Our McLaren History

At the McLaren Ball this past Saturday evening, the tunnel leading into the McLaren Technology Center was lined with each of the McLaren road cars built since the launch of the F1 back in 1992. In essence, it was the McLaren Automotive family tree. Walking down the tunnel brought back both many happy memories and reminded me of my biggest miss when it came to car buying. In total there were nine different models lined up alongside the right-hand wall. The fact that eight of the nine cars have been launched since 2011 is hugely impressive. Of the nine models, we have owned five (including 3 versions of 1) with a sixth coming in early 2019. The three models we haven’t owned are the 570S, 600LT, and F1. It is the last of these three that represents the biggest miss in my car buying career. I had a chance to acquire a F1 for around GBP 700,000 back in 2005 but passed as I thought that was a ridicules amount of money for a car at the time.

The first McLaren we were fortunate enough to own was a RHD 2013 12C Spider. How we ended up with the 12C Spider is a short story but a bit of a long saga. The short story is Mrs. SSO took one out for a test drive, disappeared into the countryside for the better part of three hours, and we she finally returned, the car was sold (Mrs. SSO’s Story: https://karenable.com/how-we-ended-up-with-our-1st-mclaren/ ). The longer story goes back to 2010 when I first heard that McLaren would be re-entering the car business. I immediately contacted them and asked to have us put on the list for the F1’s successor. While completely un-committal, McLaren did take both my details and a short history of the cars we had owned. Later when the 12C was first announced, I told them I was interested but wanted to test drive it before putting down a deposit. I was told that I needed to place a deposit to get a test drive. The result was a two-year stalemate before we were finally invited to come test drive a 12C Spider. Had this not been the case, we probably would have ended up with our first McLaren a year or two earlier. More on the story this 12C Spider is: https://karenable.com/vintage-article-1st-impressions-mclaren-12c-spider/ . Our 1st 12C Spider was sold back to McLaren London we moved to the left side of the Atlantic in 2014.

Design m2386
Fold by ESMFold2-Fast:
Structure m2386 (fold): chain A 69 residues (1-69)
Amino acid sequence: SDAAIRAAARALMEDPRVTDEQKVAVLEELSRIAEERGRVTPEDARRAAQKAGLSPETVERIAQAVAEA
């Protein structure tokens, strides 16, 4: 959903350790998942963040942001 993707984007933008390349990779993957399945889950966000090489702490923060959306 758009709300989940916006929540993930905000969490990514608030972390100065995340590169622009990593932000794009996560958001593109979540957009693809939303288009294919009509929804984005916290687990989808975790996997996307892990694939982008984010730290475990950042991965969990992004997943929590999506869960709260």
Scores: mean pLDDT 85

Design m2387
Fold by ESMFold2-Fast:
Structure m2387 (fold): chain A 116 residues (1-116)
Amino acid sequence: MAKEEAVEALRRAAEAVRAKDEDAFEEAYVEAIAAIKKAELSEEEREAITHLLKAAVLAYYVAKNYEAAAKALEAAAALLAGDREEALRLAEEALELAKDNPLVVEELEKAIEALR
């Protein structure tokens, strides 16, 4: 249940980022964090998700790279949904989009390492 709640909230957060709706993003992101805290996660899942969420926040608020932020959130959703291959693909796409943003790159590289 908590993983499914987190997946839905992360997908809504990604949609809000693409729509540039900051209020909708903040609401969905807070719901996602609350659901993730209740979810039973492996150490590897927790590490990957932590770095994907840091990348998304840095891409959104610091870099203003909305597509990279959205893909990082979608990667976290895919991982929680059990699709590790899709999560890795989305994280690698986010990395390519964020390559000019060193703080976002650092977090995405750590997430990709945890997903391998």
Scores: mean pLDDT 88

McLaren #2 was a LHD 2012 12C Coupe, acquired in early 2014. At the time I was commuting back and forth between London & Hamburg. With the autobahn beckoning, we decided to see if we could get another 12C to enjoy on the continent. As I had zero contacts with McLaren in Germany, I called one of the gentlemen I knew at McLaren HQ in Woking and asked if they had any LHD executive fleet test cars that they were looking to sell. Miraculously they did, and the spec was almost identical to our RHD 12C Spider. A deal was quickly done, and arrangements made to pick up the car at McLaren Stuttgart. Post collection, it was a brilliant drive from one end of Germany to the other including both a stop at the Nürburgring and multiple long high speed runs on empty stretches to autobahn. A few times I ran into 911s that would run up alongside to take a look. When mashing the throttle things were pretty even, however the big ceramic brakes on the 12C were far superior. I did almost get rear ended once when I had to stand on them hard. Probably the most memorable time with both 12Cs was when we took them up to Scotland for a week of brilliant driving. Like the RHD 12C Spider, we parted with the 12C Coupé when we moved back to the new world.

Our 3rd McLaren was a 2014 LHD 12C Spider acquired immediately upon arrival in the US. This car would become my daily driver for the following year, a role it performed flawlessly. The only issue we ever had with our final 12C Spider was a temperature sensor that needed replacing. As our 3rd 12C, there were a few things that we did observe. With each year, the build quality improved. Minor gremlins that would occasionally appear in the 2012 12C Coupé, never occurred with the 2014 12C Spider. The 2nd generation of the IRIS infotainment system, while still not great, was a huge step up over the original version. Our original intent was to keep this 12C Spider for the long haul but that changed quickly when we were presented with a great deal to trade up to a 650S Spider.